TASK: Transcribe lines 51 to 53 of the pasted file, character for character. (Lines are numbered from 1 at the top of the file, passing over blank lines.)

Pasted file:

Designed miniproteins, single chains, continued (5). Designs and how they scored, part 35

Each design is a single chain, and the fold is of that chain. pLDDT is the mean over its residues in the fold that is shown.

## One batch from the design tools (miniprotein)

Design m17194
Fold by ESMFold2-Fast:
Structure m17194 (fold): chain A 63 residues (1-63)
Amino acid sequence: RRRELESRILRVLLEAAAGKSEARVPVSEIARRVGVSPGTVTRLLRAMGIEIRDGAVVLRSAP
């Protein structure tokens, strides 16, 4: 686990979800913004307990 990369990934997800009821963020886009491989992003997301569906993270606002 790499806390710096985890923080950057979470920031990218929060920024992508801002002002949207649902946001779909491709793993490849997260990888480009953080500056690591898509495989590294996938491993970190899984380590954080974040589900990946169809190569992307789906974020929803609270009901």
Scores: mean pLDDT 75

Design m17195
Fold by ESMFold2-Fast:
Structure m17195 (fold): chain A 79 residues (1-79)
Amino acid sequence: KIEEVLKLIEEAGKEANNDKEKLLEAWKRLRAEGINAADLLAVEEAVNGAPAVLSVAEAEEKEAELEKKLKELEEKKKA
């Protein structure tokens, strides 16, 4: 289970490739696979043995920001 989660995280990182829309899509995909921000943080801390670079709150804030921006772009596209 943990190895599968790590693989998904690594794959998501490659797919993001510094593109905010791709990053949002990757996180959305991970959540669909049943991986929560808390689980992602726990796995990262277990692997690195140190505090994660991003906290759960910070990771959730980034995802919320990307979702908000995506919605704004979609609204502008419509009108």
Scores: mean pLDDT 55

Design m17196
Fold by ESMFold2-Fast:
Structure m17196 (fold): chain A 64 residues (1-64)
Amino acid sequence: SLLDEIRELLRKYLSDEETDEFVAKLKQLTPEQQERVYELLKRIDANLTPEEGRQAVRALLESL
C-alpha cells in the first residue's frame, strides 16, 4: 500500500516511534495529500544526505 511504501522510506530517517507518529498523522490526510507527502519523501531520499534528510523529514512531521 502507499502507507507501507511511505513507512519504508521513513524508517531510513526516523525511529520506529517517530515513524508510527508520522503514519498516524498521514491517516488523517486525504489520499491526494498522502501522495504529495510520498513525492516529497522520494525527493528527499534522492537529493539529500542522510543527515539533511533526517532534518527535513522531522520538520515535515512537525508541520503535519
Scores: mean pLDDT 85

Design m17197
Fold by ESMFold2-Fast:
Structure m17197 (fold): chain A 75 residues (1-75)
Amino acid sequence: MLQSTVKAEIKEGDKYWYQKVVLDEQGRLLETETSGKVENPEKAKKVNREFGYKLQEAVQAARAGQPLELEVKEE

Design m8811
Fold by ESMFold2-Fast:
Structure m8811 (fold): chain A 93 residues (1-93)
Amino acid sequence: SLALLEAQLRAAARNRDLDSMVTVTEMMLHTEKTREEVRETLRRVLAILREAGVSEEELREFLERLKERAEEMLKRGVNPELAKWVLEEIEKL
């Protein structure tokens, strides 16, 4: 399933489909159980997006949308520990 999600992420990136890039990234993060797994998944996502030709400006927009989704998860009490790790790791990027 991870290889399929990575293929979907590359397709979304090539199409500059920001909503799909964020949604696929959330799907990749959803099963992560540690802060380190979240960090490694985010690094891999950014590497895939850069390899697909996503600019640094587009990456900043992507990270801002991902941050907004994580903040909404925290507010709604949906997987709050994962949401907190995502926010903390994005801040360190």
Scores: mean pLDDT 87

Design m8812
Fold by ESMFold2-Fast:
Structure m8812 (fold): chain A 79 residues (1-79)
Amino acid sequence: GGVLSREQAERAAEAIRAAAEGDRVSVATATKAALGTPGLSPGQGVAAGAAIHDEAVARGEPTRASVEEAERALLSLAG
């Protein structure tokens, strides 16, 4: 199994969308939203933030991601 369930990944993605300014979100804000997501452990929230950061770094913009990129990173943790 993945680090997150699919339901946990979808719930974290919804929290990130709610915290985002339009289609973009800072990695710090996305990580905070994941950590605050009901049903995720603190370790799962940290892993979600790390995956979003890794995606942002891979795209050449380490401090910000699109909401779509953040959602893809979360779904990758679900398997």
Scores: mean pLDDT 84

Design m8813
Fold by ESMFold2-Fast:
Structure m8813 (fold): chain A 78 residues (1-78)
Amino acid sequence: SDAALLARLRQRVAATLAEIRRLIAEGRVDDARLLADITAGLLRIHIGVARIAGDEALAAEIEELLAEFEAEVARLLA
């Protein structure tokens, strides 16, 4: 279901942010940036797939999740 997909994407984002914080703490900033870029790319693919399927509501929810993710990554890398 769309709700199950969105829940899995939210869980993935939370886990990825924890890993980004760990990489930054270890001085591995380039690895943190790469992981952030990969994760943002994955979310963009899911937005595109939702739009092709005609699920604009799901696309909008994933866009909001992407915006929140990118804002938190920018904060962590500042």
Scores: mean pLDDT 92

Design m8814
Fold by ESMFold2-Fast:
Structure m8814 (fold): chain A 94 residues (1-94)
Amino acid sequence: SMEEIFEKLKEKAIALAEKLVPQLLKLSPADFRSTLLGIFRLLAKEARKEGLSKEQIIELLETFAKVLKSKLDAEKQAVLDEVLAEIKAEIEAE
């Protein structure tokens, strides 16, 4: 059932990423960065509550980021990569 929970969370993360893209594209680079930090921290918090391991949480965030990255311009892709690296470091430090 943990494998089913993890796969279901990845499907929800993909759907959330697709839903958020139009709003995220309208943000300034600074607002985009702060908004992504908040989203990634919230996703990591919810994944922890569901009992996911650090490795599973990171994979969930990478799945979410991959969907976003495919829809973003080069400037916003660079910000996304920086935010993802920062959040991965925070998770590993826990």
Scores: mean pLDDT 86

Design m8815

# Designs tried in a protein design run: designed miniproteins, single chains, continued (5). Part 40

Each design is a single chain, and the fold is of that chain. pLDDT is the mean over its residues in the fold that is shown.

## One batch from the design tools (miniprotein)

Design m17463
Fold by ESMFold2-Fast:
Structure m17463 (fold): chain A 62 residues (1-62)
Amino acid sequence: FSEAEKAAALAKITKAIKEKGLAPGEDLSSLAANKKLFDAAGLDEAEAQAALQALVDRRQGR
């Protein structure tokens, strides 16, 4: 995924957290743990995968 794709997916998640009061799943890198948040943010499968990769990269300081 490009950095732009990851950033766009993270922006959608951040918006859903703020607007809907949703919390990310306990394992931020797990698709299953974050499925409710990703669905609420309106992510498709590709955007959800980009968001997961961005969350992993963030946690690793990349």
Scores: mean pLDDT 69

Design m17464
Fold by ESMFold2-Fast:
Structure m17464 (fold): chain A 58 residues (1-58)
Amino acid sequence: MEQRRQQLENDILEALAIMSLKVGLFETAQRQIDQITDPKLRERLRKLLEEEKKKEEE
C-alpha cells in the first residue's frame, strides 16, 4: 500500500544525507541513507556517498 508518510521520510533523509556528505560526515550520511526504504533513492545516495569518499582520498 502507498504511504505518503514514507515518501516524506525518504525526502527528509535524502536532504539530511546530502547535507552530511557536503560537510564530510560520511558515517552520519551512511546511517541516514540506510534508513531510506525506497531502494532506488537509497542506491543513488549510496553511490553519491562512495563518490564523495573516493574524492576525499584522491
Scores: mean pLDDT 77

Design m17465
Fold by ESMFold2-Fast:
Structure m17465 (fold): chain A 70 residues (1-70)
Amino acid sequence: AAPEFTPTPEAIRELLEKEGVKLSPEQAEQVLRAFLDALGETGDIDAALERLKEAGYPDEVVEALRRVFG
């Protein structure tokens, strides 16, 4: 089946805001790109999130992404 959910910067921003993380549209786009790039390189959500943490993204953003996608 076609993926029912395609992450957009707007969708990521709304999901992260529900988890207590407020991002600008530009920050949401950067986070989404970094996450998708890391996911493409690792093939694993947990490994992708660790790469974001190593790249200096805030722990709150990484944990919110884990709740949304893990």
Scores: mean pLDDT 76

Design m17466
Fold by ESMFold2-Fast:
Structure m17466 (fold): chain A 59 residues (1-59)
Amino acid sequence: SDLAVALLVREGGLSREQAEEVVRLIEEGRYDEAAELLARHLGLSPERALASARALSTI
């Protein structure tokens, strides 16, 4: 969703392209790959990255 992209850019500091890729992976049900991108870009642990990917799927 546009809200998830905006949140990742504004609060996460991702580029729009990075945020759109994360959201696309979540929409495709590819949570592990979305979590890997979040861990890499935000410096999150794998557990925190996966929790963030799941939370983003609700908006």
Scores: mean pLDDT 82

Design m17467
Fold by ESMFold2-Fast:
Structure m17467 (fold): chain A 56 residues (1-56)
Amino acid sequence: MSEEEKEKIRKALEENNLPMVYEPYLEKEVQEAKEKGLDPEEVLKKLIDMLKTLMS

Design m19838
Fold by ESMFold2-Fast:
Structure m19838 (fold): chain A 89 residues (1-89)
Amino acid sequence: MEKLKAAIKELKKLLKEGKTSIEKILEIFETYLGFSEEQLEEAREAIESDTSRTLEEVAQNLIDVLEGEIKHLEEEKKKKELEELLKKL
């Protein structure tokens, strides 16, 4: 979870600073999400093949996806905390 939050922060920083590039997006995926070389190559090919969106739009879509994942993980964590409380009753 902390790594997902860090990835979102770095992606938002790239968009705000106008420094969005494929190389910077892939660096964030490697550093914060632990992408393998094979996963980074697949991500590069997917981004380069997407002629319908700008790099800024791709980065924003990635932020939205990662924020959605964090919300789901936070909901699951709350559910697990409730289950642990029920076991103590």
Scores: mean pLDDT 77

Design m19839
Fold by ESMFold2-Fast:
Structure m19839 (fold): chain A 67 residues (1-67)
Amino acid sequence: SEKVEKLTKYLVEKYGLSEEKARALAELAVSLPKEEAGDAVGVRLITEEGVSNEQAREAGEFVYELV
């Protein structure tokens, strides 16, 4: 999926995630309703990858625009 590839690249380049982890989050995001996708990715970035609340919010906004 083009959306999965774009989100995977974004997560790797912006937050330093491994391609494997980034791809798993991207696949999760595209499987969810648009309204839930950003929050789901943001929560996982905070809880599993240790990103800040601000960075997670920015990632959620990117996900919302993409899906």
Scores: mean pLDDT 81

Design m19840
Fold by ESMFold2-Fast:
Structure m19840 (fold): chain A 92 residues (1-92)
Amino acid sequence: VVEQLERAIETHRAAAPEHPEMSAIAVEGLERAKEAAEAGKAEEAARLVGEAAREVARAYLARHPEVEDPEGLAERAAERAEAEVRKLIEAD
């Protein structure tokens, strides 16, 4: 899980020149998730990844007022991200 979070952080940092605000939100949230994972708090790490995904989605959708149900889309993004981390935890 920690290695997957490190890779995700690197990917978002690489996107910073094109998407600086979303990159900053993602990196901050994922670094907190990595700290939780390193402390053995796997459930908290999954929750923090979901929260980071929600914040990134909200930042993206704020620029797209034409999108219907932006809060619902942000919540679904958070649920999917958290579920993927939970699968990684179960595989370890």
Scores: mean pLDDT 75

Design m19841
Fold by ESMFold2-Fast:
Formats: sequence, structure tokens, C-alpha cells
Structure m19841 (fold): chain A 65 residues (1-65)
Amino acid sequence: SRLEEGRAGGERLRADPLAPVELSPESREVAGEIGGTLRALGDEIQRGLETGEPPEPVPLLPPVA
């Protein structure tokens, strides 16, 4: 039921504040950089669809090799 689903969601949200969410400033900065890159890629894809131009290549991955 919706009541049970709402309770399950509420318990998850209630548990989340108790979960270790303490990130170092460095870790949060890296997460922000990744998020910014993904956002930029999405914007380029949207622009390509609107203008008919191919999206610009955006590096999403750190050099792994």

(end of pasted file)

# Designs tried in a protein design run: designed miniproteins, single chains, continued (5). Part 40

Each design is a single chain, and the fold is of that chain. pLDDT is the mean over its residues in the fold that is shown.

## One batch from the design tools (miniprotein)